Identification by biochemical tests

Dilworth dilworth at megsinet.net
Thu Aug 17 23:27:37 EST 2000


What Watson has said is correct.  Bacteria are identified by percentages, fitting
most likely profiles.  If one has a problem organism, that you KNOW is a PURE
CULTURE (this is CRITICAL, and sometimes overlooked - make SURE you're using a one
colony subculture), then one must go to the charts, set up the sugars or other
biochemicals and play the percentages.  Aerobic gram positive rods, specifically
the Bacillus species, at least in medical microbiology, are fairly difficult to
identify, and most medical labs won't go to a species identification unless forced
to by the nature of the specimen (blood culture, sterile body fluid).  Then again,
it's a matter of ruling out, say, Bacillus anthracis or Bacillus cereus, the two
most problematic species (I don't have the charts in front of me, so I don't
remember offhand what the reactions are that rule these out - it's some combination
of hemolysis and motility, I believe).  We used to sign out Bacillus as "Bacillus
species, not anthracis or cereus" for example.

Gram negative rods are identified based on lactose reaction and oxidase reaction,
and biochemicals are set up accordingly.  A good basic group of biochemicals
identify most of these (we use a commercial system - Vitek) and then have a backup
commercial system (API) for the problems, with a few other oddball sugars and
biochemicals at our disposal.  A lot of times, bugs are identified as _______
species because it's just not possible to speciate, and the doc needs the
sensitivity more than the full identification.

We use the ASM Manual (whatever the current edition is) for problems, but there are
also many other good texts out there.   Part of having years of experience in micro
is that you file away the data on the problem bugs that you run into once in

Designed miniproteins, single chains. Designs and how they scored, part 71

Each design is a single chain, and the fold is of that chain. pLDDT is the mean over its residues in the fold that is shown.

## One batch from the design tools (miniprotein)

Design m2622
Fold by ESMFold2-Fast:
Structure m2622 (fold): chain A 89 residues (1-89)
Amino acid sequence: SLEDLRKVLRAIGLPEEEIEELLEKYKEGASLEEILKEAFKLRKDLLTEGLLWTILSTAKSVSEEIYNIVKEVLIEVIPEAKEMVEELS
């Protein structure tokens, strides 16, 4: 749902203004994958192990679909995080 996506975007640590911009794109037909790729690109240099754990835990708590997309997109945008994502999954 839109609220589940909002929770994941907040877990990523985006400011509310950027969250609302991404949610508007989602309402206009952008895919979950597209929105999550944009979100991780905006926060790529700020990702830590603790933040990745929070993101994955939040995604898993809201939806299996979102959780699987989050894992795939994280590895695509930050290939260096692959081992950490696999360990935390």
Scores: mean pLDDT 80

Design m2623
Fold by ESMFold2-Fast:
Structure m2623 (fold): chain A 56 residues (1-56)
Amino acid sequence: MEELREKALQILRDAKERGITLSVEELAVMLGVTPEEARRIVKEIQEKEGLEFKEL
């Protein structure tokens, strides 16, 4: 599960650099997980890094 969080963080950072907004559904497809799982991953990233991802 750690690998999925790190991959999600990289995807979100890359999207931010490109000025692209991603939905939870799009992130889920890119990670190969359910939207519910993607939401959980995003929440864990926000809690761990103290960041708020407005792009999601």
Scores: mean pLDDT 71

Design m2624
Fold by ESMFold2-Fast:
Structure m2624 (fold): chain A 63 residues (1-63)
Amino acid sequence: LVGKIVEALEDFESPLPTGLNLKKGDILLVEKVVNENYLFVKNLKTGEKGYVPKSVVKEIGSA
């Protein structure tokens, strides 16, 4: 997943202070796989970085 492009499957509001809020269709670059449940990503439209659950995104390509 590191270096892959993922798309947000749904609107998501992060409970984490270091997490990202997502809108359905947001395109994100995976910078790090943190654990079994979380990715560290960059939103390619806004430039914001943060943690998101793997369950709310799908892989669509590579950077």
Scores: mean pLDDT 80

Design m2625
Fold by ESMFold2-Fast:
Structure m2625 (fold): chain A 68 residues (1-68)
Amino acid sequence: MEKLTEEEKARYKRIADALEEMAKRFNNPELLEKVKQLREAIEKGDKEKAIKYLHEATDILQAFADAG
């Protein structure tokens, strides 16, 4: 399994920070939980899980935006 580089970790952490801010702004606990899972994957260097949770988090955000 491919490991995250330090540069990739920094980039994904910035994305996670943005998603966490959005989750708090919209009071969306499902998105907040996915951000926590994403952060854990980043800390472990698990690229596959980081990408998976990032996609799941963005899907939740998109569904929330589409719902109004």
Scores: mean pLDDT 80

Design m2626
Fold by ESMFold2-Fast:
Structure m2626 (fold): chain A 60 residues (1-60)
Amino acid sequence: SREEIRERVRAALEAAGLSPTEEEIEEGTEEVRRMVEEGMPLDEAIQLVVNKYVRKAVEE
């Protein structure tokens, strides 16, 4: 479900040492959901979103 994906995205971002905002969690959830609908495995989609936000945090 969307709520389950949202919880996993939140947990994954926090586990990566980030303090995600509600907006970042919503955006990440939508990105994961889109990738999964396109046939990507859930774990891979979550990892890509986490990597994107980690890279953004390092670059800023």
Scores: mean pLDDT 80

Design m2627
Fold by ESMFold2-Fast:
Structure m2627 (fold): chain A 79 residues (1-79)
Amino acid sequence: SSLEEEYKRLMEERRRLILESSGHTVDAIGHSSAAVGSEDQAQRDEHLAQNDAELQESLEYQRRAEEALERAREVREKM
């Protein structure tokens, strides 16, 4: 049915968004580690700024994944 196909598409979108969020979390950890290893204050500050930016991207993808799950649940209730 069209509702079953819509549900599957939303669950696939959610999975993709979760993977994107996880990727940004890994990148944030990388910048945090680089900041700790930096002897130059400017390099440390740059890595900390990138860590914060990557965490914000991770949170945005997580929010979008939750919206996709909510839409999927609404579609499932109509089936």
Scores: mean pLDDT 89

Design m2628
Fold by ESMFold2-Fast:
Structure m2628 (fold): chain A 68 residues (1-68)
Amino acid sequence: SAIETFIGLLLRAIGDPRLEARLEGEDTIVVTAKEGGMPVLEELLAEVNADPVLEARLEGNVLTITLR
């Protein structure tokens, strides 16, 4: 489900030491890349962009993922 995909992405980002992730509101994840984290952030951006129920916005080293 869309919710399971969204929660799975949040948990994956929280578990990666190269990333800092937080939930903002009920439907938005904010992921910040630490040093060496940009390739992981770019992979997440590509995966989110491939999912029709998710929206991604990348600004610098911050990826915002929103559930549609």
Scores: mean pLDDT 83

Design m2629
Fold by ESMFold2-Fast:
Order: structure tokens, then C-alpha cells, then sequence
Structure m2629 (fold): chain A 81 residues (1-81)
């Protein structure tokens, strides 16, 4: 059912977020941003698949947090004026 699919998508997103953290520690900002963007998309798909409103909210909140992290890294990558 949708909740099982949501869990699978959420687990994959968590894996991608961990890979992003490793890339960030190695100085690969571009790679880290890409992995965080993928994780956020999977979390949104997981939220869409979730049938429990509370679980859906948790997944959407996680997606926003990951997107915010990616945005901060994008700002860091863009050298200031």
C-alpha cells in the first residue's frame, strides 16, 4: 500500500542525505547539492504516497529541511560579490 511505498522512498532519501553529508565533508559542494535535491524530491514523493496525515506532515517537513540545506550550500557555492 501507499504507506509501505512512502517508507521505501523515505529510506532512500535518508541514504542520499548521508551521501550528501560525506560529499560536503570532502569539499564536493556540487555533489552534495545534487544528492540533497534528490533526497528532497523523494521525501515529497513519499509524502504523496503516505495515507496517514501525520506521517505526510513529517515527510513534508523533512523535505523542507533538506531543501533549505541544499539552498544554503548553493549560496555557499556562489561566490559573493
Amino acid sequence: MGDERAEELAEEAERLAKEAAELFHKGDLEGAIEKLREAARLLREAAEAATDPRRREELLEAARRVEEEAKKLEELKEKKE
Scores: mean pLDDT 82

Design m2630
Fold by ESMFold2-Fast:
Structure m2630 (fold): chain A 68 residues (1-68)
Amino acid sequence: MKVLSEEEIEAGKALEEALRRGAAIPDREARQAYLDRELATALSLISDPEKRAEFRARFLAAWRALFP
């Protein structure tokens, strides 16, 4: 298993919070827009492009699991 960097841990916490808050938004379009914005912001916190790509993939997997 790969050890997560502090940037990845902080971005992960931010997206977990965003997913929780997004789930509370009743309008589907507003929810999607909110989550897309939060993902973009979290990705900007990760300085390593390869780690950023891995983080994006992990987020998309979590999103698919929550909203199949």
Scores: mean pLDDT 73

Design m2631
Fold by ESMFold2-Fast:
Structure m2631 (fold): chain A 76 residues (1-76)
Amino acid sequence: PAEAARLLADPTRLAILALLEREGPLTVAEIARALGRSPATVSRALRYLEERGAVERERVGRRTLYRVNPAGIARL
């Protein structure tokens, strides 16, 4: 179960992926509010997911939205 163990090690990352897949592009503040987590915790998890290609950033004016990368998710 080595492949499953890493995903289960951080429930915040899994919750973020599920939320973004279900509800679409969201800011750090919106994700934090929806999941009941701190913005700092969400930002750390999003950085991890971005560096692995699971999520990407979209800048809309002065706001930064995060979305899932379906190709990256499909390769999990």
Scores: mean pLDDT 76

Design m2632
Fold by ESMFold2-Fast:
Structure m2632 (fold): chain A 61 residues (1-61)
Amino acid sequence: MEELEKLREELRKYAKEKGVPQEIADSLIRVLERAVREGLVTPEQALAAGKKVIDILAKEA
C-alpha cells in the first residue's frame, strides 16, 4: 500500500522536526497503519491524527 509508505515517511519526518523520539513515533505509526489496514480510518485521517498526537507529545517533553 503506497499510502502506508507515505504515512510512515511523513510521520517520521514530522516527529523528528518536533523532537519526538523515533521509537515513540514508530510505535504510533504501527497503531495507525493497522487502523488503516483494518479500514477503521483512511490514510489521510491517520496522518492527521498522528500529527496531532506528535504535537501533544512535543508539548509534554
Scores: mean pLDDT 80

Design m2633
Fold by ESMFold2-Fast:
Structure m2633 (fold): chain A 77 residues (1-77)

awhile, to utilize that information ten years later when you run into it again.  If
there is a problem with commercial systems, it is that one doesn't learn the
biochemical reactions like you do when you set up tubed biochemicals, which is how
I learned and identified bacteria for the first six years of my career.  However,
with the volume that our laboratory does, it would be next to impossible to perform
all the identifications in this way anymore - the labor costs would skyrocket.

Now that I'm off my soapbox, I hope this has helped out.

Judy Dilworth, M.T. (ASCP)
Microbiology 26 years

Watson Comehere wrote:

> I see two areas of difficulty that you are encountering.
>
> First, by working with dichotomous schemes you are expecting
> a "definitive" answer.  Dichotomous schemes
> give yes/no answers -- but sometimes identification requires "judgement"
> as to what the most likely or reasonable or sensible ID is.  You just don't get
> a clear cut results.
>
> You need to acquire the ability to perform a range of tests and accept
> that in some instances the IDs will be in the form of a probability... or
> your personal judgement about the organism.........
>
> Identifying beasties requires a broad look at an array of characteristics
> and sound microbiological judgement.  You must develop an ability to accept
> answers in terms of probability.........
>






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